a site out of sight; Antioch in Psidia
Yalvac, a town of Isparta city,
is offering a beautiful ancient site to the history lovers today.
It is no doubt that archaeologist Mehmet
Taslialan has played a great role in bringing the city to the daylight. He has been
carrying out excavations for nearly 20 years as the director of Yalvac museum. Today, one
can find him at the site in Yalvac while supervising excavations, or at the museum in his
humble office doing the paperwork, with a saturated enthusiasm and an ever-welcoming smile
on his face, as if he is in the first days of his career. For a first timer ( for you may
always wish to go there again, having seen it once ) it would be a great joy to listen to
the stories of the ancient city from him or at least to read from his book (*).
The ruins of Antioch are quite spread out and
require at least a two hour visit for a proper touring. First time visitor is always
surprised to find the remains so much intact and well preserved. Especially the highlights
of the city; the theatre, the temples of the God Men, and of Augustus and St.Paul's church
strike him most.
had actually been some seventeen cities in ancient Anatolia with the same title of
Antioch, for it was a commonly used personal name by the Seleucids who established many
colonies in Anatolia such as this one which they named after their own rulers. One should
not mix the Antioch on the Orontes with the Antioch in Psidia though, the former being far
down on the Syrian border and called Antakya or Hatay now.
In his book Taslialan mentions the
archaeologists W. Ramsay and D. M. Robinson to excavate the site in the years of 1913-14
and 1924 for the first time. " The first excavations were
carried out here by W. Ramsay and D. M. Robinson, revealing that there had been a
settlement here since the neolithic age. According to written sources and archaeological
finds the city was founded by Antioch I in 280 BC. The city proper, or polis, covers an
area of 14 sq km, but the lands which belonged to it stretched from Sultan Dagi to the
southern shore of Lake Egirdir, and southwest as far as Gelendost. It stood at a junction
of two main roads stretching from west to east and from north to south, and this strategic
importance combined with its fertile lands meant that it was an important settlement in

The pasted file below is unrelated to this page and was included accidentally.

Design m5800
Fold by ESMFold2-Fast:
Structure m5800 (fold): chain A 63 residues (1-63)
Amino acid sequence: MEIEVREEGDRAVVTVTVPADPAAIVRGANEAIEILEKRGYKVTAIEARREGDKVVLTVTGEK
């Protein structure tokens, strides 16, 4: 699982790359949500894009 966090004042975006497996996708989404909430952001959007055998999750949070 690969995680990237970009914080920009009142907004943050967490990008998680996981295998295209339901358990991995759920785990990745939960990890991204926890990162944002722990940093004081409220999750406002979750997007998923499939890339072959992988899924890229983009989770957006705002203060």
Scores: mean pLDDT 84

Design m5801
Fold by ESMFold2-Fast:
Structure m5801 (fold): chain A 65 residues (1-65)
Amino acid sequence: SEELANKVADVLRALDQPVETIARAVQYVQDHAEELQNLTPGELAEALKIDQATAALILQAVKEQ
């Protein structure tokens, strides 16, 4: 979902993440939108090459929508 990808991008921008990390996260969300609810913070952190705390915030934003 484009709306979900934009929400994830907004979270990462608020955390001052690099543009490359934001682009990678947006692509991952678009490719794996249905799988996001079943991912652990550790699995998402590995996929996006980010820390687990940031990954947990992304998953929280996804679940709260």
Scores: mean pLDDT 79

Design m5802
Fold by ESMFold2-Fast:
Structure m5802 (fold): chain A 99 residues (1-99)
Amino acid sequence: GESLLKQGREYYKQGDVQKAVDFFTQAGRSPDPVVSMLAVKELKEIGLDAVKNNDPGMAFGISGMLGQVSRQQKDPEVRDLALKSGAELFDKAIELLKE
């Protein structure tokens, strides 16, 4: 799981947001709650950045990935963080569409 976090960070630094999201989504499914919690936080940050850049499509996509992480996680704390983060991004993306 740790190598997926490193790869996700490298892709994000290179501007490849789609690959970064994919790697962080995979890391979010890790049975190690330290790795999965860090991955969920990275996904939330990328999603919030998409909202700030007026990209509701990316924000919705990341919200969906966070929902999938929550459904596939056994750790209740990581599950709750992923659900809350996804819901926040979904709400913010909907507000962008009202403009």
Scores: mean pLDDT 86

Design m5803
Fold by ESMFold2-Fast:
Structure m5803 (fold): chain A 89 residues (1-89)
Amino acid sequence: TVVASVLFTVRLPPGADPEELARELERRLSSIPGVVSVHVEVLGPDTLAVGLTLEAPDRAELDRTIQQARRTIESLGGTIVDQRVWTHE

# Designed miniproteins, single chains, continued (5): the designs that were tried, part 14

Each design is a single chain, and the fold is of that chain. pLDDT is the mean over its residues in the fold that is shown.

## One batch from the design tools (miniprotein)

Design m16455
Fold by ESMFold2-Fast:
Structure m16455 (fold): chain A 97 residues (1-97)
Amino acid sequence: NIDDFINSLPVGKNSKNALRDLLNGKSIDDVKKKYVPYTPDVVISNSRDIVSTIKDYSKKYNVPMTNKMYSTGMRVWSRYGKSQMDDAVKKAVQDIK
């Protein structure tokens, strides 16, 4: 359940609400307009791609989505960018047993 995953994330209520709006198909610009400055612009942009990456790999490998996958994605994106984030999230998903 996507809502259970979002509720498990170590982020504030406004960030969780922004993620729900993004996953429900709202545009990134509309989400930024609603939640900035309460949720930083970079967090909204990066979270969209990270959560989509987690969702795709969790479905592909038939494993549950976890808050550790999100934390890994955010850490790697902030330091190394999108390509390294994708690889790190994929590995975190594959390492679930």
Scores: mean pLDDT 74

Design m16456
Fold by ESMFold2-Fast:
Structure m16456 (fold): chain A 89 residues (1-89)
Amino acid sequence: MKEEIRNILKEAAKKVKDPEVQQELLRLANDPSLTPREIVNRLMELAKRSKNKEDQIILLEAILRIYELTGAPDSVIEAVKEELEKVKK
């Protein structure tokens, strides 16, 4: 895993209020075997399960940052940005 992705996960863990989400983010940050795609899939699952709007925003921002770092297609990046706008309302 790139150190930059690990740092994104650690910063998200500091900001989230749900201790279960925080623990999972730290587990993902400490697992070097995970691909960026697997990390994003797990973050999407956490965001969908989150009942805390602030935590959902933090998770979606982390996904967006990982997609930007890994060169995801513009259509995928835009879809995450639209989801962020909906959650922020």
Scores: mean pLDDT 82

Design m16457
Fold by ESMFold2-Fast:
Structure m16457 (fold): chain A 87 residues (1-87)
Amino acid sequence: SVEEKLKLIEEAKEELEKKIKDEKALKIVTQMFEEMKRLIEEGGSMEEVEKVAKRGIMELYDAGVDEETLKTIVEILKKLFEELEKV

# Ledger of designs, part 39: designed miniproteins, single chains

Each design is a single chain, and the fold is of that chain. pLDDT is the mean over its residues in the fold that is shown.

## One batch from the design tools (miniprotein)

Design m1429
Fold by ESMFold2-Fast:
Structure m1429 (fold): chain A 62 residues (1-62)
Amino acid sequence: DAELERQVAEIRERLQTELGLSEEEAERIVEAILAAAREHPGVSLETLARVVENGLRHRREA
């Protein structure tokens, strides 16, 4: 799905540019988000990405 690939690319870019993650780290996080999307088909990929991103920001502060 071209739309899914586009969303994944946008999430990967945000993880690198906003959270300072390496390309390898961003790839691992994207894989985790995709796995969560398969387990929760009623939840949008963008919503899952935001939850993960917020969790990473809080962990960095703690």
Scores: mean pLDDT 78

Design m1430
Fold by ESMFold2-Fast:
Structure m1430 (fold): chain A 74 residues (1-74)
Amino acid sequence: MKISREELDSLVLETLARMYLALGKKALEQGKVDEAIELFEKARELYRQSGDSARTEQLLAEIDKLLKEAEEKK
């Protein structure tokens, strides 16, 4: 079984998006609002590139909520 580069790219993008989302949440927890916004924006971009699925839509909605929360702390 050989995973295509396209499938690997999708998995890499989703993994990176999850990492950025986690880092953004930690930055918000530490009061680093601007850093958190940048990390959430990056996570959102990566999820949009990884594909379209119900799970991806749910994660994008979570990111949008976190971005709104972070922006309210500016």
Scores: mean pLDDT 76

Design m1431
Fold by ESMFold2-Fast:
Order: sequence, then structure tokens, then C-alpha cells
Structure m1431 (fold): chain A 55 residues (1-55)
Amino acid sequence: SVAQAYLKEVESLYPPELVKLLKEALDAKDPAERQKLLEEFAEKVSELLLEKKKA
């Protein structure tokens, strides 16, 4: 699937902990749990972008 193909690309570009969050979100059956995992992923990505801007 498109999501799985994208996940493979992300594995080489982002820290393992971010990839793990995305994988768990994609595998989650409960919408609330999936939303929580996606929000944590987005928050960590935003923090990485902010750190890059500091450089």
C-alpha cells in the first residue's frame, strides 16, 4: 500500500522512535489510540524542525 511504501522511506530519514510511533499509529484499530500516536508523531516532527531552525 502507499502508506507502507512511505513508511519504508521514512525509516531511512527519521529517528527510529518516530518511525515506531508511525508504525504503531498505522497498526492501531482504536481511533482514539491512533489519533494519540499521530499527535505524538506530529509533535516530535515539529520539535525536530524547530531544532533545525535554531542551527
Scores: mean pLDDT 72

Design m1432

the region for many centuries." (*)
heydays of the city began with the announcement of Antioch to be the military colony of
Rome in 25. It was the second Roman capital in Anatolia by the Emperor Augustus, and three
thousand veterans from Rome were brought to settle here. Interestingly enough, the
testament of the Emperor Augustus written by himself shortly before his death was
discovered here among the fragments of the propylon in which the Emperor told about his
achievements during his lifetime.
The temple of Augustus is partially unearthed
today and one can easily see the beautiful rocky foundations under it. The remains of the
frieze with bull head motifs all made in different styles are worth noticing. Formerly,
there is believed to be a temple of the Anatolian moon God Men here.
As once Taslialan had explained when he kindly
accompanied one of my groups, the theatre was another interesting structure in the site;
the only of its kind so far known, and maybe the first one ever made in the history, in
that there was constructed a 200 feet long tunnel under the audience seats of the theatre,
the cavea, which was made in the Roman times out of necessity to enlarge the theatre
without cutting the main avenue.
theatre is also associated with an event important in the development of Christianity in
Anatolia. Thecla, one of the earliest believers of Christianity, follows him here to
Antioch from Iconium ( Konya ) after she was converted by St. Paul there and was thrown to
wild beasts here.. A lion, as apocrypha has it, defends her against them and her life is
saved. This is believed to have taken place in this theatre.
What moves all Christians coming here is, of
course, St. Paul's church. St. Paul is known to have come to Antioch with Barnabas in the
1st century AD and chose it as a centre for his missionary activities. His first sermon to
the congregation of a synagogue was given here. Later, the first and largest church in
Anatolia dedicated to St. Paul was constructed on this site. This church and the remains
of the synagogue beneath it can still be seen today. It was here for the first time that
St. Paul thought of going back to the gentiles, after he was unwelcomingly treated and
sent away by the jews.
Every year the number of visitors with biblical
tour programmes is increasing and a big anniversary meeting here for the year 2000 is
Thanks to all who contributes to the development
of this forgotten ancient city. It seems Antioch is going to gain a new title pretty soon
she was longing for, for long: " A site out of sight but not out of mind ". It
is also my hope that more and more people will devote time to take the turn to Yalvac
while driving between the Egridir lake and Konya. A very untouristy, low-profile town is
From " A
tourguide's diary "
* Antioch in Psidia, Dr. Mehmet Taslialan
* Photos from THY; Skylife journal